The Role of Elution Gradient Shape in the Separation of Protein Therapeutics

November 30, 2014
Anurag S. Rathore , Vijesh Kumar , Varsha S. Joshi , Ira S. Krull

LCGC Europe

Volume 27, Issue 12

In this article, we discuss the role of the gradient in protein separations by reversed-phase and ionexchange high performance liquid chromatography (HPLC).

Pages 659-664


In this article, we discuss the role of the gradient in protein separations by reversed-phase and ion-exchange high performance liquid chromatography (HPLC). To illustrate the key points, we show data from two products. Granulocyte colony stimulating factor (GCSF) is a microbial protein that is expressed in E. coli. For this molecule, reversed-phase HPLC is examined for separation of the product-related variants. The other molecule is a biosimilar monoclonal antibody product and, in this case, ion-exchange HPLC is explored as a tool for analysis of the acidic, main, and basic variant species.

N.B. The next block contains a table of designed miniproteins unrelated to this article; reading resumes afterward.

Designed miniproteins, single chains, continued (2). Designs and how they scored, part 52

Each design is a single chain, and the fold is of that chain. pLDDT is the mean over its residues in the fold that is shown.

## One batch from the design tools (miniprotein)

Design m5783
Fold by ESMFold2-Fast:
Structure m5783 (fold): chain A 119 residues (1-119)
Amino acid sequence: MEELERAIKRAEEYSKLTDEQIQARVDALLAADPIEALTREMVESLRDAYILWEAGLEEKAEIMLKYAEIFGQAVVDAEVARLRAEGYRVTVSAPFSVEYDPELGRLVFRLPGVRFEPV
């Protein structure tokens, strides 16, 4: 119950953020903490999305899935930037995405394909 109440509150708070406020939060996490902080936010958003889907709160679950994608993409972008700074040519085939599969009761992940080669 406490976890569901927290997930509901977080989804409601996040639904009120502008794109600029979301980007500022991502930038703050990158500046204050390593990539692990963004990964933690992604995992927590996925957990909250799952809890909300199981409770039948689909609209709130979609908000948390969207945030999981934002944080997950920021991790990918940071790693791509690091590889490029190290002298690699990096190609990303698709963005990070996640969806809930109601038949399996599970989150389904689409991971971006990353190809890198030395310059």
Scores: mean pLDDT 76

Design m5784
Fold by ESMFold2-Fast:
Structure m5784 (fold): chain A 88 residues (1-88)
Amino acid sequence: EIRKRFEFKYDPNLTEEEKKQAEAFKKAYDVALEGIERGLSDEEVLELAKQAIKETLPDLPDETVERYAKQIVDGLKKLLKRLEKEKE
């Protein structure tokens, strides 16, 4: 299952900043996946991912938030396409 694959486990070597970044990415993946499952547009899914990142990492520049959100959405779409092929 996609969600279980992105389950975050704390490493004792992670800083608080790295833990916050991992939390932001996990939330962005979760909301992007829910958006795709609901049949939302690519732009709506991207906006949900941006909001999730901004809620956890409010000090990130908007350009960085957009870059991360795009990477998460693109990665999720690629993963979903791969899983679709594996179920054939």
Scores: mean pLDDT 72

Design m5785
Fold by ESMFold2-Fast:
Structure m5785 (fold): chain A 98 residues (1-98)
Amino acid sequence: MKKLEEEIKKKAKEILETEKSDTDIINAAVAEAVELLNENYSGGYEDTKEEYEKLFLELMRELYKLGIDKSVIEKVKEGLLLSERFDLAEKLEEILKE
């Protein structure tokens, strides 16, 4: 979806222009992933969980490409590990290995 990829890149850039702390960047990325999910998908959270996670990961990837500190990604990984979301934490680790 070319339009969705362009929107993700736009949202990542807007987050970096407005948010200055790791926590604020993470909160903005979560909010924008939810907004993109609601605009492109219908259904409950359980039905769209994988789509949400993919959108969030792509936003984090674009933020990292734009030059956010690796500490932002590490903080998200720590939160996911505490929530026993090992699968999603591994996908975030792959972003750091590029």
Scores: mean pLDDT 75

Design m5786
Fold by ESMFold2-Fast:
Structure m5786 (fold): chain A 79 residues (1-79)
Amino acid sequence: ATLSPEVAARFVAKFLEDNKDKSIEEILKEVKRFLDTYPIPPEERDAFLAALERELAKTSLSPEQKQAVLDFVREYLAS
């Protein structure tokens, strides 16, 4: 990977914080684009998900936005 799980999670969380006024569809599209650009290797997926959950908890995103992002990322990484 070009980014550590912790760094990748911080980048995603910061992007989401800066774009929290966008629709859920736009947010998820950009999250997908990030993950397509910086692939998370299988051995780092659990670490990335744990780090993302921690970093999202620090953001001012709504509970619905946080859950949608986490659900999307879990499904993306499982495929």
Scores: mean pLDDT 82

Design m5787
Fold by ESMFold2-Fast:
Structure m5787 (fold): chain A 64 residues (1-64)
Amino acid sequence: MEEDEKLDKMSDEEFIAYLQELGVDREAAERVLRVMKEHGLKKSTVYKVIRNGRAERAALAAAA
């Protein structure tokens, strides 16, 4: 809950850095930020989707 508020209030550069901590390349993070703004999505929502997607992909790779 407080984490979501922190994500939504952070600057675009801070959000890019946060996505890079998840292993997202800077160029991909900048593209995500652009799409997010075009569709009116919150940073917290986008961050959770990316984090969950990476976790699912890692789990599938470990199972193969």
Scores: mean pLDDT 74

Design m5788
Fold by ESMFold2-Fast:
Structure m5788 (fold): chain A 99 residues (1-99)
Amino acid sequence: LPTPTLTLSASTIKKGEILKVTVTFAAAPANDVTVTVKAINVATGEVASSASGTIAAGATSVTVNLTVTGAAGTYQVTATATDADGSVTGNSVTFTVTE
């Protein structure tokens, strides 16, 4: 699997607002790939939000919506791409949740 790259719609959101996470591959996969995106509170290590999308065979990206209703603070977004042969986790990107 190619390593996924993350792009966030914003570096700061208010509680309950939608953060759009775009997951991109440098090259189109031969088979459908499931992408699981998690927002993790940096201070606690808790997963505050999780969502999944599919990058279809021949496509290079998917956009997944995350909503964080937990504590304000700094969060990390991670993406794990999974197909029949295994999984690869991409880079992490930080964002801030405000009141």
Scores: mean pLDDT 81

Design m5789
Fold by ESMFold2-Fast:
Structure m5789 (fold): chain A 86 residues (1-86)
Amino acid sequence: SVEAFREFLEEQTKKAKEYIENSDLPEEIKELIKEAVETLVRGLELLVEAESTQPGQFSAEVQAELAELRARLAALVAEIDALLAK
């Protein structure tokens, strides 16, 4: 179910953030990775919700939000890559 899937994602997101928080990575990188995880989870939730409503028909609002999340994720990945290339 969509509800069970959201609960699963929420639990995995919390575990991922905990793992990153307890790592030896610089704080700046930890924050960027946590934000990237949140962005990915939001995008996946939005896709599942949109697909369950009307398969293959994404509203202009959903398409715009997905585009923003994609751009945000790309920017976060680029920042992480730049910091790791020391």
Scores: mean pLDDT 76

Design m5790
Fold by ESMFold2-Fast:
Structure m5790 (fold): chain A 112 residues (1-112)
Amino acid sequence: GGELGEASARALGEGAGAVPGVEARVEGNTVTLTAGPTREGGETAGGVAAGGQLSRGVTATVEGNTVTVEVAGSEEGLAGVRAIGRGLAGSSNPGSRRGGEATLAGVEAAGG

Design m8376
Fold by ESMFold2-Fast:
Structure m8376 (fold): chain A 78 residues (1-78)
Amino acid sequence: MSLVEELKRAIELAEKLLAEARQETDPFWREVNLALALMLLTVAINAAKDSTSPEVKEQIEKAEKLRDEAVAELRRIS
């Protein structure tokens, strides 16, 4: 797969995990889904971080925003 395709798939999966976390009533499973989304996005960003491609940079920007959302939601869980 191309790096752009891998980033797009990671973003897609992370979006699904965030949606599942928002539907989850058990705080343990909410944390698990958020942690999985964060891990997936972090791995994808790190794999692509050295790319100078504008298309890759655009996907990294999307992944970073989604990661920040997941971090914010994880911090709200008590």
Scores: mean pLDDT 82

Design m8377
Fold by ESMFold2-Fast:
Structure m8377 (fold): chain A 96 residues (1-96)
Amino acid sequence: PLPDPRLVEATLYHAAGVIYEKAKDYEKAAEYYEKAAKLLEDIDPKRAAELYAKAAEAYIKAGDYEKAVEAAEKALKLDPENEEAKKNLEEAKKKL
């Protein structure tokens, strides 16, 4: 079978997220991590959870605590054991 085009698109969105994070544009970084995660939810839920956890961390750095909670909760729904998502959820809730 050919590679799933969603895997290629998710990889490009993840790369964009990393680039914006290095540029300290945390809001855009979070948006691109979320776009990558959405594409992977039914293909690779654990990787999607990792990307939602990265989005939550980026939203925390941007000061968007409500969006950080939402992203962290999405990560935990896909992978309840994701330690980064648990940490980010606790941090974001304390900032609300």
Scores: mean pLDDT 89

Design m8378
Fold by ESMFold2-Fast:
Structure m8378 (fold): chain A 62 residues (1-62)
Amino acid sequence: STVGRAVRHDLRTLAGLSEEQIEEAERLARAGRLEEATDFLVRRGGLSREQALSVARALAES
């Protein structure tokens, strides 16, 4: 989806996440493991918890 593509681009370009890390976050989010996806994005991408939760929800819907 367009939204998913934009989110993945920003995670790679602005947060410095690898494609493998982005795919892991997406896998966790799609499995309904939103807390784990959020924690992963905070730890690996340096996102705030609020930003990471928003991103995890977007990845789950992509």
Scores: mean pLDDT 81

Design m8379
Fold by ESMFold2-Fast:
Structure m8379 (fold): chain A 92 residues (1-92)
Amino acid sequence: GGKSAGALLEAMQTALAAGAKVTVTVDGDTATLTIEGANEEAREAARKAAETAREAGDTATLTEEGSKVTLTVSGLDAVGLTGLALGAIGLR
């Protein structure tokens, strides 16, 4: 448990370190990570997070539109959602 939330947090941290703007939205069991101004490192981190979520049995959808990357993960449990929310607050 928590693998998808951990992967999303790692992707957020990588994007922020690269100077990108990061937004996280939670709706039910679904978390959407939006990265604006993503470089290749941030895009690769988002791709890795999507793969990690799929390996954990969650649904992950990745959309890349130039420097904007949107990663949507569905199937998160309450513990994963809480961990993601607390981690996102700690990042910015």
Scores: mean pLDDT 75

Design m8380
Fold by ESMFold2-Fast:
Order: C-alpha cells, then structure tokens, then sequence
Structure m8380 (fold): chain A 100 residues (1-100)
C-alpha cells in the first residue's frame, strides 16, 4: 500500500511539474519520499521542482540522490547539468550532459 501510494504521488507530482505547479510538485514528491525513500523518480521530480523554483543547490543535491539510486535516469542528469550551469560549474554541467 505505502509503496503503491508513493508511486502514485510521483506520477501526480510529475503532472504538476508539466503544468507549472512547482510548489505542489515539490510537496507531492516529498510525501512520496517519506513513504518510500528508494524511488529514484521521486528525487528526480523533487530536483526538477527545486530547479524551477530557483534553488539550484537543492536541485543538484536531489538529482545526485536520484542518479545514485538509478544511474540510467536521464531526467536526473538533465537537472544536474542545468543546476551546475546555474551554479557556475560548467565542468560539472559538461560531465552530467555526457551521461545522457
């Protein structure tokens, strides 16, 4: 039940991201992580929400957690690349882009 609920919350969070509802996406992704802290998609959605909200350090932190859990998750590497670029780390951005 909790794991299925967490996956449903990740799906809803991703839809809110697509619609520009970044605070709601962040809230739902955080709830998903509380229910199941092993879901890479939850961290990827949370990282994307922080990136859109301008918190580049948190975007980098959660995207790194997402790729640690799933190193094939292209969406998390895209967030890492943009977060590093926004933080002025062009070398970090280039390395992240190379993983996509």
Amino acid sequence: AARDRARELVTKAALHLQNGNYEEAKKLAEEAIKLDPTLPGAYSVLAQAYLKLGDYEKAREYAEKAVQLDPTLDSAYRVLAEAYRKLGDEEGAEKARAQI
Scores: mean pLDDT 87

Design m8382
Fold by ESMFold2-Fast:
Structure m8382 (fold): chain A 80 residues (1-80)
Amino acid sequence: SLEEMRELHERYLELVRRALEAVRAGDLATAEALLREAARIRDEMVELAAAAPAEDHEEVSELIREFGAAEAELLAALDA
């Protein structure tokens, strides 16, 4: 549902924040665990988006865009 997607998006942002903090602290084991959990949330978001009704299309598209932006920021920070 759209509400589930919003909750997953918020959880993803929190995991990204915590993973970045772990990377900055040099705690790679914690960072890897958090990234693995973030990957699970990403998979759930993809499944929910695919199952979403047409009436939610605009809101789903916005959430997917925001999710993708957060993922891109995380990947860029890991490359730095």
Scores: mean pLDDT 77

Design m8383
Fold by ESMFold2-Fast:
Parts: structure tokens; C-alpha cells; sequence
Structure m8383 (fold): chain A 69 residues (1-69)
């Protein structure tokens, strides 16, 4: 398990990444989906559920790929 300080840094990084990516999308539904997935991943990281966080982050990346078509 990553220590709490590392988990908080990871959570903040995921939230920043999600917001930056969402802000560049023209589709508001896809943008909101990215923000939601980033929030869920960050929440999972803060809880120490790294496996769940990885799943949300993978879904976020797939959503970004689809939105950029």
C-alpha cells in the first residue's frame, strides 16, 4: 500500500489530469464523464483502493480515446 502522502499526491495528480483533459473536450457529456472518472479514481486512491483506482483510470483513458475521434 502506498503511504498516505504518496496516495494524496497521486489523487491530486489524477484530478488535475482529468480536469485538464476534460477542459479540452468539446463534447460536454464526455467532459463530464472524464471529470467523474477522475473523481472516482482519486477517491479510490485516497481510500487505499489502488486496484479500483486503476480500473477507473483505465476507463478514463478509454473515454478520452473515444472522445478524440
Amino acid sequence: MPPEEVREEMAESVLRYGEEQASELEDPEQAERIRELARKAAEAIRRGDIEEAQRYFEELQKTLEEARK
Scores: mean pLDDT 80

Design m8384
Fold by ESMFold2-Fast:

The number of therapeutic protein products available for use has radically increased in recent years. They include a wide variety of molecules such as recombinant human cytokines (for example, α and β interferon), cellular growth factors (such as granulocyte-macrophage colony-stimulating factor [GM-CSF]), hormones (such as glucagon), neuromuscular antagonists (for example, botulinum toxin), blood products (such as clotting factor VIII), and monoclonal antibodies (mAbs) (1). For protein therapeutics to be effective, they must be synthesized in their biologically active forms, with proper folding and post-translational modifications (2). However, these products are known to be associated with a variety of heterogeneities because of modifications such as glycosylation, deamidation, oxidation, and disulphide bond formation, which occur as a consequence of events during protein expression, purification, and storage (3). In view of these heterogeneities, thorough characterization using multiple orthogonal techniques is necessary for receiving regulatory approval for product commercialization. Of the many tools that are used, high performance liquid chromatography (HPLC) is the primary workhorse for analysis of biopharmaceutical proteins (4,5). The significant advantages that HPLC offers include high reproducibility, high sample throughput because of autosampling capabilities, high separation resolution, easy quantitation, high precision, and high robustness (6).